The main government institute with the responsibility for supervision and for keeping the government informed has, in effect, been disbanded, after its bosses were sacked. Meanwhile, millions of Germans who have had blood transfusions have been encouraged to take Aids tests by the Health Minister, Horst Seehofer.
Other German companies may become further embroiled. And the fears are spreading beyond Germany's borders, with the revelation that infected blood may have been exported to the UK and several other European countries, including Austria, France and Italy.
The scandal exploded after an incident late in the evening of 5 October. Mr Seehofer had held a meeting with officials from the federal health institute about the dangers of HIV- infected blood, and how to minimise those dangers. Then, just before 11pm - after the meeting had finished - he was unexpectedly given a list from the institute showing 373 cases of HIV-positive blood transfusions. In Mr Seehofer's words: 'Suddenly, it went click.'
Mr Seehofer, furious that his ministry had not been kept fully informed, swung into action in a high-profile campaign which cynics saw as a damage- limitation exercise, and which some doctors criticised for unleashing panic. Mr Seehofer insisted: 'I am personally very affected by the affair, because it is a matter of life and death.'
The scandal centres on the small company UB-Plasma, in Koblenz, just down the Rhine from Bonn. Of the 10 employees, four are under arrest, accused of fraud and of causing injury through culpable negligence. UB-Plasma has been closed. The company, which supplied blood to hospitals and clinics throughout Germany, stands accused of failing to test many batches of donated blood, so precipitating an unknown number of Aids infections.
At the heart of the problem was the commercial nature of blood-testing and blood donation in Germany, which has two disadvantages. First, paid blood donations mean drug addicts have an obvious incentive to donate blood frequently. In some cases, addicts have continued to give blood even when their injecting habits were known. Second, plasma companies can have an obvious financial interest in testing less thoroughly than they should under law.
UB-Plasma which faced financial problems, had apparently mass-tested some of its blood, rather than testing each sample individually. In addition, some blood appears not to have been tested at all, or only by very rudimentary methods.
Part of the reason that the scandal has come to light is that one of the employees at UB- Plasma, shocked at the laxity of procedures, recently blew the whistle. One former lab worker also told the authorities that contaminated blood was 'treated with hydrochloric acid before being distributed in the public system'.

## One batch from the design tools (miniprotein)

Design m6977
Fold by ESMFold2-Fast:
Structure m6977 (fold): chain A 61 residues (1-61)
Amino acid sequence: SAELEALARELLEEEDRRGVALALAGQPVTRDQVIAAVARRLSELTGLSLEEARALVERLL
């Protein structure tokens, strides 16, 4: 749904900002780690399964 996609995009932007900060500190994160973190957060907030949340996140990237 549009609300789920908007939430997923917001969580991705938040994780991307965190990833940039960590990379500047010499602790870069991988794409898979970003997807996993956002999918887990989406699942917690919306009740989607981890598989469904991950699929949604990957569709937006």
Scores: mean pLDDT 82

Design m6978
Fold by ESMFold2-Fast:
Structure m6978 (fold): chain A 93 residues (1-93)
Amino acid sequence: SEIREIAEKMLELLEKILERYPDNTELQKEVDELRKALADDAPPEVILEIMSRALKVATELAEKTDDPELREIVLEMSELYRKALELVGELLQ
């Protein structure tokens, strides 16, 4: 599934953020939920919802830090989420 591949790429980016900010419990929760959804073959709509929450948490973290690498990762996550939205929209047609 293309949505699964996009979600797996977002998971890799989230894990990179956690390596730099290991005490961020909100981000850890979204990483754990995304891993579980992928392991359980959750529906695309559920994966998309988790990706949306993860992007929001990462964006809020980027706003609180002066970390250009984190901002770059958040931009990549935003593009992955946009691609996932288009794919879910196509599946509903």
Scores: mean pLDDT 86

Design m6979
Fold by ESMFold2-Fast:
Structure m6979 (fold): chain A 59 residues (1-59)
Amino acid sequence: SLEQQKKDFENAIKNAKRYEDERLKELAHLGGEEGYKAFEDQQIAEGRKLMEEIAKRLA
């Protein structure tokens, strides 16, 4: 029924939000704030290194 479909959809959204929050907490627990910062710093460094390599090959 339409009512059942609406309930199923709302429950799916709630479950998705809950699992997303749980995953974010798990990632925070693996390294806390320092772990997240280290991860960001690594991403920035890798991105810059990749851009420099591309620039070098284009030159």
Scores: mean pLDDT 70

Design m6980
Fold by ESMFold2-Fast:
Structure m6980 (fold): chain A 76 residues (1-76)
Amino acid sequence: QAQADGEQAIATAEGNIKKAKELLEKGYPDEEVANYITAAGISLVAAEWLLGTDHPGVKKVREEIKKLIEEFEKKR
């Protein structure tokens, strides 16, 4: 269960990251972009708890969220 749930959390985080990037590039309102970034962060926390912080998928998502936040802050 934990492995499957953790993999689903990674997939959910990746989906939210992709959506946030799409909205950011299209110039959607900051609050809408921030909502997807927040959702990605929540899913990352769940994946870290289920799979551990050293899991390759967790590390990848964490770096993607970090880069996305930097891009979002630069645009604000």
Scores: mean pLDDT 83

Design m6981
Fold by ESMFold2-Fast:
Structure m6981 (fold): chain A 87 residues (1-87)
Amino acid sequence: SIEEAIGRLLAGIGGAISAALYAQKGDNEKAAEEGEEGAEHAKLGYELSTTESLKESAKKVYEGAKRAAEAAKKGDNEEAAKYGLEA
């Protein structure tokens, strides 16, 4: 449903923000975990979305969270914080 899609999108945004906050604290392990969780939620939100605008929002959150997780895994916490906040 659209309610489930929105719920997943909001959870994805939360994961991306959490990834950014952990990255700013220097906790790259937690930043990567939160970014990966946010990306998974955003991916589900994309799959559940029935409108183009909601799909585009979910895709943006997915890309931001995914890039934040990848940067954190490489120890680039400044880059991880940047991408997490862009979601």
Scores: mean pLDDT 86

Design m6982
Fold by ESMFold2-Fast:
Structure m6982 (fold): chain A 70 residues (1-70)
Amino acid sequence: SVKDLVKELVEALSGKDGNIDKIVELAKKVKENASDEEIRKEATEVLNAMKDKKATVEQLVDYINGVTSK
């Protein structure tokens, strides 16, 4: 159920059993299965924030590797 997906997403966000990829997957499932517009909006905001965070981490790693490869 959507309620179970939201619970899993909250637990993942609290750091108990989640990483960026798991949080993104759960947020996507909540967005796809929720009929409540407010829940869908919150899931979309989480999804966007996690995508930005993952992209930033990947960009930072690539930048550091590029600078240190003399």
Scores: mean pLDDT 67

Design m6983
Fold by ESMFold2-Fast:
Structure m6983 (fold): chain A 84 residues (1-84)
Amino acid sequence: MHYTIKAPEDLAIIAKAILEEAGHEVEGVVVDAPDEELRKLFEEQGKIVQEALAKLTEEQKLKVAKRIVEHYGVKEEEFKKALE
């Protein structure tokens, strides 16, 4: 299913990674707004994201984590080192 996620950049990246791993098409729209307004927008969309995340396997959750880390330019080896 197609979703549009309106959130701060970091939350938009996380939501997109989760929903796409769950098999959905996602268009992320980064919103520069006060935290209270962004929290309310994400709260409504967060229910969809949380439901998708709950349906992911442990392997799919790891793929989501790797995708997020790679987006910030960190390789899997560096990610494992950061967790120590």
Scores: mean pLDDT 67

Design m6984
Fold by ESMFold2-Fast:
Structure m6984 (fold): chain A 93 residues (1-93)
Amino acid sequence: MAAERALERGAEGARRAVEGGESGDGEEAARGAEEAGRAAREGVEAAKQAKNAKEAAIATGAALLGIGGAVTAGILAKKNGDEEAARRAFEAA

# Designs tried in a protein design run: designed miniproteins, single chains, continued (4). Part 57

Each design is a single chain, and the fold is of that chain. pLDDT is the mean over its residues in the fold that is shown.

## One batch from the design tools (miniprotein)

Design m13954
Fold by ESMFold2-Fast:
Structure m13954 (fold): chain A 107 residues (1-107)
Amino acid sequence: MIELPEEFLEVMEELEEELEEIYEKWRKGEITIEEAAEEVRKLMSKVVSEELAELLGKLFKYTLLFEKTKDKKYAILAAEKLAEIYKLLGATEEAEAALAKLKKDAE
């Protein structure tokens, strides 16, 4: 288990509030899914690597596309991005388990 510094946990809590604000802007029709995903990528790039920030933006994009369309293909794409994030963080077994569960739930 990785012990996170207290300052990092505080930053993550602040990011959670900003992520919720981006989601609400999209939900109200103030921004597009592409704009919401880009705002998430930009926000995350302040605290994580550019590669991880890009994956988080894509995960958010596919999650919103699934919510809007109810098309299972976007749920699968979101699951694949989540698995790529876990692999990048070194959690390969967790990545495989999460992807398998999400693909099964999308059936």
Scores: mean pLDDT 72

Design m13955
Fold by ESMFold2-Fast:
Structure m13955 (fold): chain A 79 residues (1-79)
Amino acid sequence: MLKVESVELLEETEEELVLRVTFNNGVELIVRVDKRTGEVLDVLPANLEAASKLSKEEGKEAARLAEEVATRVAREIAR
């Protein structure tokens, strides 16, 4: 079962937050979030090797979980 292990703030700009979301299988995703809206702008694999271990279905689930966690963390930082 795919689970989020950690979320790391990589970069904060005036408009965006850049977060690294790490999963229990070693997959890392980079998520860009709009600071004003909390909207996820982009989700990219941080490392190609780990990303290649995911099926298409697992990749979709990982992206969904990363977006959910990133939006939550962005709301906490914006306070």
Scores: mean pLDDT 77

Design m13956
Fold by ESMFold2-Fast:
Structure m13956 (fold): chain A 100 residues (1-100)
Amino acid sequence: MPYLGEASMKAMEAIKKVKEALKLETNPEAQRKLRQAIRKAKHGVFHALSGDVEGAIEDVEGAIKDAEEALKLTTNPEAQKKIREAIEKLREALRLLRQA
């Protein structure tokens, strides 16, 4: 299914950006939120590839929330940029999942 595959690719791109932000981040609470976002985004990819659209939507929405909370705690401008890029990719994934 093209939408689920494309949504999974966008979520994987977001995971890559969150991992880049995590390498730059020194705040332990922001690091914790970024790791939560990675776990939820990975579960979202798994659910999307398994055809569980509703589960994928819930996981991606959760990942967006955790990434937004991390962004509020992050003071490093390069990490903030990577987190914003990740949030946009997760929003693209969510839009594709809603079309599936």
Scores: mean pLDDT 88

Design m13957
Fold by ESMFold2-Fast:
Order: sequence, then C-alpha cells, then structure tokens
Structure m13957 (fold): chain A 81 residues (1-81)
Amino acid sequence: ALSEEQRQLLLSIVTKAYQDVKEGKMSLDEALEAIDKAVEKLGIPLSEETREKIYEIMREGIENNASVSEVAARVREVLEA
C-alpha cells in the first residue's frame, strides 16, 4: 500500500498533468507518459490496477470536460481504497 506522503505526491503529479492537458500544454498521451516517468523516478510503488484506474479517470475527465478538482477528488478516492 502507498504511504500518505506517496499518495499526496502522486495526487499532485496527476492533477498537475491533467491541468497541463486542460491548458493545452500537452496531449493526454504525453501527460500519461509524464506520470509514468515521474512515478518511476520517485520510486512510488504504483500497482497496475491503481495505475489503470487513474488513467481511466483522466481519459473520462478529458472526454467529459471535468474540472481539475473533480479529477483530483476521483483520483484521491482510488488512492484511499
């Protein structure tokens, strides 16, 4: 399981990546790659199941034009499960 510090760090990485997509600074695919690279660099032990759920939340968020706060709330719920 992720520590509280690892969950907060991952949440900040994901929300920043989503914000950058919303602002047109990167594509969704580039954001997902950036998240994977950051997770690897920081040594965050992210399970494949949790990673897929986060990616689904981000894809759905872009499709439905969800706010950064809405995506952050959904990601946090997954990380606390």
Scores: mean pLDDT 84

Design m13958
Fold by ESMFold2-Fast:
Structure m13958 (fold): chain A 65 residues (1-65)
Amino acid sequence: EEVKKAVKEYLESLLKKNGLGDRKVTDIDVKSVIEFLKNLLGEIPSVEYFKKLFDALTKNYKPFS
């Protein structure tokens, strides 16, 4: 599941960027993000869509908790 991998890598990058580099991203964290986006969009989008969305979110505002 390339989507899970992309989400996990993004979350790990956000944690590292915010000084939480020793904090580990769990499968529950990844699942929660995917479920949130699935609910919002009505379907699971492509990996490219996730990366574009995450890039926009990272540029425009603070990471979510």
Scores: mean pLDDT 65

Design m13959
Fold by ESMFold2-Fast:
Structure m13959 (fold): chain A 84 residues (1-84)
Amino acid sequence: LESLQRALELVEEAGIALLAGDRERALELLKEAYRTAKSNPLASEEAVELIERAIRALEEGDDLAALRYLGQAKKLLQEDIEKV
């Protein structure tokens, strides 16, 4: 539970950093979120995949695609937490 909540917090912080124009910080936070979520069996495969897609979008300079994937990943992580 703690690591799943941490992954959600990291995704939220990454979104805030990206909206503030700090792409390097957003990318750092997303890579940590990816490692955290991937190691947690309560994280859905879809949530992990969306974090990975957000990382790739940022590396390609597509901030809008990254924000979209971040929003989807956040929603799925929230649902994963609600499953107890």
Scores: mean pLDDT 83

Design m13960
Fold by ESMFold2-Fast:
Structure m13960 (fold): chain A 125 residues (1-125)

Tomorrow's edition of the weekly Der Spiegel reports that state authorities knew about negligence at the lab as far back as 1987 but failed to react. Der Spiegel also alleges that a doctor at the Bonn university clinic, one of the largest centres in the world for treatment of haemophiliacs, took more than 2m marks ( pounds 800,000) in bribes in connection with the scandal.
In several areas, there has been a special alert, where high numbers of patients received blood from UB-Plasma. In the district hospital in Bruchsal, south of Heidelberg, 95 per cent of plasma used between 1988 and March 1993 is said to have come from UB-Plasma. Up to 3,000 patients from that one hospital may thus be affected: all will be offered an Aids test.
Tests for anyone who thinks they might be at risk are now being recommended. The result has been jammed phone- lines to advice numbers throughout the country; there are 3 million blood transfusions in Germany each year.
The hospital doctors' association has complained of Mr Seehofer's 'over-hasty and scientifically inaccurate statements'. The president of the German medical association, Karsten Vilmar, has complained of an 'HIV show', and accused Mr Seehofer of creating mass panic, in order then to present himself as a saviour. For many, one of the main lessons is the urgent need to tighten up existing regulations. In the words of the Suddeutsche Zeitung: 'A pub landlord serving beer or a laboratory producing plasma - as far as the supervising authorities are concerned, there's more or less no difference . . . (but) whoever is served bad food or drink, throws up - and then feels better. Anybody receiving contaminated blood, will die.'Reuse content